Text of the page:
It would have been better if Najib did not place geopolitics at the top of the risks Malaysia currently faces. After all, Najib’s impotence in issues ranging from 1MDB to Malaysian fishing rights has been as clear as night and day since 2009.

As for the threat of Islamic State, Najib affirmed that Malaysia is one of the safest countries in the world, ranked well within the first fifty. But with more than 160 Malaysians fighting in Iraq and Syria, and several others already fighting in Marawi in the Philippines,  how safe can Malaysia be when the shores of Sabah and Sarawak could be easily breached?

In fact, there have been numerous cases of kidnappings off the coast of Sabah and Sarawak, all of which have hit families without the means of paying the ransom. Several families have had to go down on their knees in opposition rallies – not government rallies – to beg for donations to rescue their loved ones who have been kidnapped.

Additionally, when a recent ransom was paid for four Sarawakian hostages, Inspector-General of police Khalid Abu Bakar claimed ignorance about the money collected for the ransom.

When Defense Minister Hishammuddin Hussein, Najib’s own cousin, could not resolve any of the issues above, he was appointed as a special functions minister in the Prime Minister’s Department in charge of Islamic State.

When the shares of FGV went under, former Minister in the Prime Minister’s Department Idris Jala was brought in to look into the issue. Instead of resolving it, Idris Jala took to declaring that he only needed six days to find a solution. Six days came, and went, and again no solution was presented. But did the Prime Minister hold him accountable? No.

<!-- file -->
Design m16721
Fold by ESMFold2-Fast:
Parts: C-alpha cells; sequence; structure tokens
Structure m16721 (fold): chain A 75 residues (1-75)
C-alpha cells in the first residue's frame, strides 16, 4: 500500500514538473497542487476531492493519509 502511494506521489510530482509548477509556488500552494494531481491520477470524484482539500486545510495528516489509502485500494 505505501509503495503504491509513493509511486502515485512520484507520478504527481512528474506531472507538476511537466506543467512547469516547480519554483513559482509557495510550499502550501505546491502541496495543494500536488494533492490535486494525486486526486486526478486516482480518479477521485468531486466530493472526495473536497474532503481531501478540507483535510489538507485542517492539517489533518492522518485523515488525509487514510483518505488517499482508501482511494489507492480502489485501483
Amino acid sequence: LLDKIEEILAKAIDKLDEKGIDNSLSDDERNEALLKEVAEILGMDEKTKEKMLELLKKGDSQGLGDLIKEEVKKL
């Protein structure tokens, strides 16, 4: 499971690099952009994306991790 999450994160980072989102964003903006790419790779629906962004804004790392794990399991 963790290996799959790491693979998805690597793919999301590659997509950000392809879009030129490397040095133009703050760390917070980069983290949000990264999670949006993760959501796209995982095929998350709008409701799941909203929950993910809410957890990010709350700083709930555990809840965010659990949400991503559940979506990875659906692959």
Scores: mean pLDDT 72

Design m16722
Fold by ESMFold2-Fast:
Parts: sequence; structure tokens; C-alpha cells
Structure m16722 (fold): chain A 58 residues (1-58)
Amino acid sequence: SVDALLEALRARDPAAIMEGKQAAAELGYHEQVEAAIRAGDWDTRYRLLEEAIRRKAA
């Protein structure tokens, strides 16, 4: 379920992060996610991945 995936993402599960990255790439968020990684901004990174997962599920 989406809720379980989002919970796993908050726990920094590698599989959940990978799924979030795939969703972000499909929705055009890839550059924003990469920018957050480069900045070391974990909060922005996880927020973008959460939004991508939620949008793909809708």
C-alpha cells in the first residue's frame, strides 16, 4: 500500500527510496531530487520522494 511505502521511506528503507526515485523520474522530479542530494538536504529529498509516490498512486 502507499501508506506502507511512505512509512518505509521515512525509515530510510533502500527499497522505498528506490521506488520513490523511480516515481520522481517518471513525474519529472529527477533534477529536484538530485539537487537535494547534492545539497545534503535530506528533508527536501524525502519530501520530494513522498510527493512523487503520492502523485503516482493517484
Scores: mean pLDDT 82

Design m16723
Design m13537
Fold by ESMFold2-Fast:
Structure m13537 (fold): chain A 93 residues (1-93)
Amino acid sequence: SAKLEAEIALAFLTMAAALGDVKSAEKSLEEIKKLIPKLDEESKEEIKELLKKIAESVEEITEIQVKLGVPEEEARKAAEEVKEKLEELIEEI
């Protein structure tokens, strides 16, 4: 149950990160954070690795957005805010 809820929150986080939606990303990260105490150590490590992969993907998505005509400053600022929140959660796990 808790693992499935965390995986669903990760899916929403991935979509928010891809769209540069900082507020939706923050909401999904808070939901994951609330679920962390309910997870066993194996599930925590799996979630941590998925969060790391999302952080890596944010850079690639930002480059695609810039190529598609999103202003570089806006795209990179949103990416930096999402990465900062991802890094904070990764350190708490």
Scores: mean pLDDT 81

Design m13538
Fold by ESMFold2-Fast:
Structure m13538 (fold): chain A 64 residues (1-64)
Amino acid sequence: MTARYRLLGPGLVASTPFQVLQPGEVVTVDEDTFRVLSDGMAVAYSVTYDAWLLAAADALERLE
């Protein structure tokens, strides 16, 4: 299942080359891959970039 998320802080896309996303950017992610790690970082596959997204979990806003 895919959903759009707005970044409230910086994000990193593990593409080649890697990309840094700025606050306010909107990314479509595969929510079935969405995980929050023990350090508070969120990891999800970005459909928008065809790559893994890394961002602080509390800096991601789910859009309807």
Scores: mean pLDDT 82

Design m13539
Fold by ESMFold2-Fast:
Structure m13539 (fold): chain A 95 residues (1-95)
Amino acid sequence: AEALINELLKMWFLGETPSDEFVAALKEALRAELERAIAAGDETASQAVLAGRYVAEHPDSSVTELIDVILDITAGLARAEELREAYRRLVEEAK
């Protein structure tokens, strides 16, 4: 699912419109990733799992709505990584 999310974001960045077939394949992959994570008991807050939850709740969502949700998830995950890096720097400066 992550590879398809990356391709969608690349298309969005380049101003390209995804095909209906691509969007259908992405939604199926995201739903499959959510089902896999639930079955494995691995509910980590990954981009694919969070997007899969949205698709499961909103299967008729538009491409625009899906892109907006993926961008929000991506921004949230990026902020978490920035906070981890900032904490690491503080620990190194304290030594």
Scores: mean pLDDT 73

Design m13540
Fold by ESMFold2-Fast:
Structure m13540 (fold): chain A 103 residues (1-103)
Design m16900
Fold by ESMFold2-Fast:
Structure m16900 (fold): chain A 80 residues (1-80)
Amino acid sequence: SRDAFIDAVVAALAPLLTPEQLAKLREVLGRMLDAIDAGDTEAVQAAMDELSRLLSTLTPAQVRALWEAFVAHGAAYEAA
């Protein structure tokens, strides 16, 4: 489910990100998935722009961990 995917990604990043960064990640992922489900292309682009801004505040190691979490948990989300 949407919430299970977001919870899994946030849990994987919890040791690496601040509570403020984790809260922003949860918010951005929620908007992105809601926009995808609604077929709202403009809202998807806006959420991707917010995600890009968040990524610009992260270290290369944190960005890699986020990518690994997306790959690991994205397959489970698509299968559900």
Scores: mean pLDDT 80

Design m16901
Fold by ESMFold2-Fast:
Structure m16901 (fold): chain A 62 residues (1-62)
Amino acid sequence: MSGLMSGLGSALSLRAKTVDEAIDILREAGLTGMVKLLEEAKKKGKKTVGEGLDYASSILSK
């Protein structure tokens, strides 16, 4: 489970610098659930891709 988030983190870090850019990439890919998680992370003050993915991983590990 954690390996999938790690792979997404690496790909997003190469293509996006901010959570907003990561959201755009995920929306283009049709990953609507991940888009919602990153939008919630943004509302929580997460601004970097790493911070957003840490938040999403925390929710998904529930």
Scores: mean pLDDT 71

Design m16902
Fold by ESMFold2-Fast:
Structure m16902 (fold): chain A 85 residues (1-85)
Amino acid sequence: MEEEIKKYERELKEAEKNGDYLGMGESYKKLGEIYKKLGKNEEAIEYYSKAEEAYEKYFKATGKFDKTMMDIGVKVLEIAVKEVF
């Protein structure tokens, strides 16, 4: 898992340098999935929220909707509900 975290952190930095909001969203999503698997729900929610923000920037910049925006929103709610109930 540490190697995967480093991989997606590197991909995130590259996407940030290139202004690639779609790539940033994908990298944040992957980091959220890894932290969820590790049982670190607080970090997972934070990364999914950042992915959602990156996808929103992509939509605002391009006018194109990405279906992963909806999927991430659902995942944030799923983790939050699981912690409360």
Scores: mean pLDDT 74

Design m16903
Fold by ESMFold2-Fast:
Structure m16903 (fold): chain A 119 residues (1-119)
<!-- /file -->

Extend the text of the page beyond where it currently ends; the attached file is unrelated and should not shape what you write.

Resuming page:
If this is a normal country, it is only “normal” by Najib’s own “Jho Low” standards. This is how Jho Low went missing with a vessel named “The Equanimity”.

Does the Prime Minister even know what “equanimity” means? Well, it means mental calmness and composure.

With a prime minister who allegedly allowed someone who graduated from the University of Pennsylvania’s Wharton School of Business to steal billions from Malaysia, it is no wonder that he still looks up to Wharton’s rankings. In other words, one can borrow heavily, and steal from Malaysian coffers, and not be punished at all. With a prime minister like Najib, who needs enemies?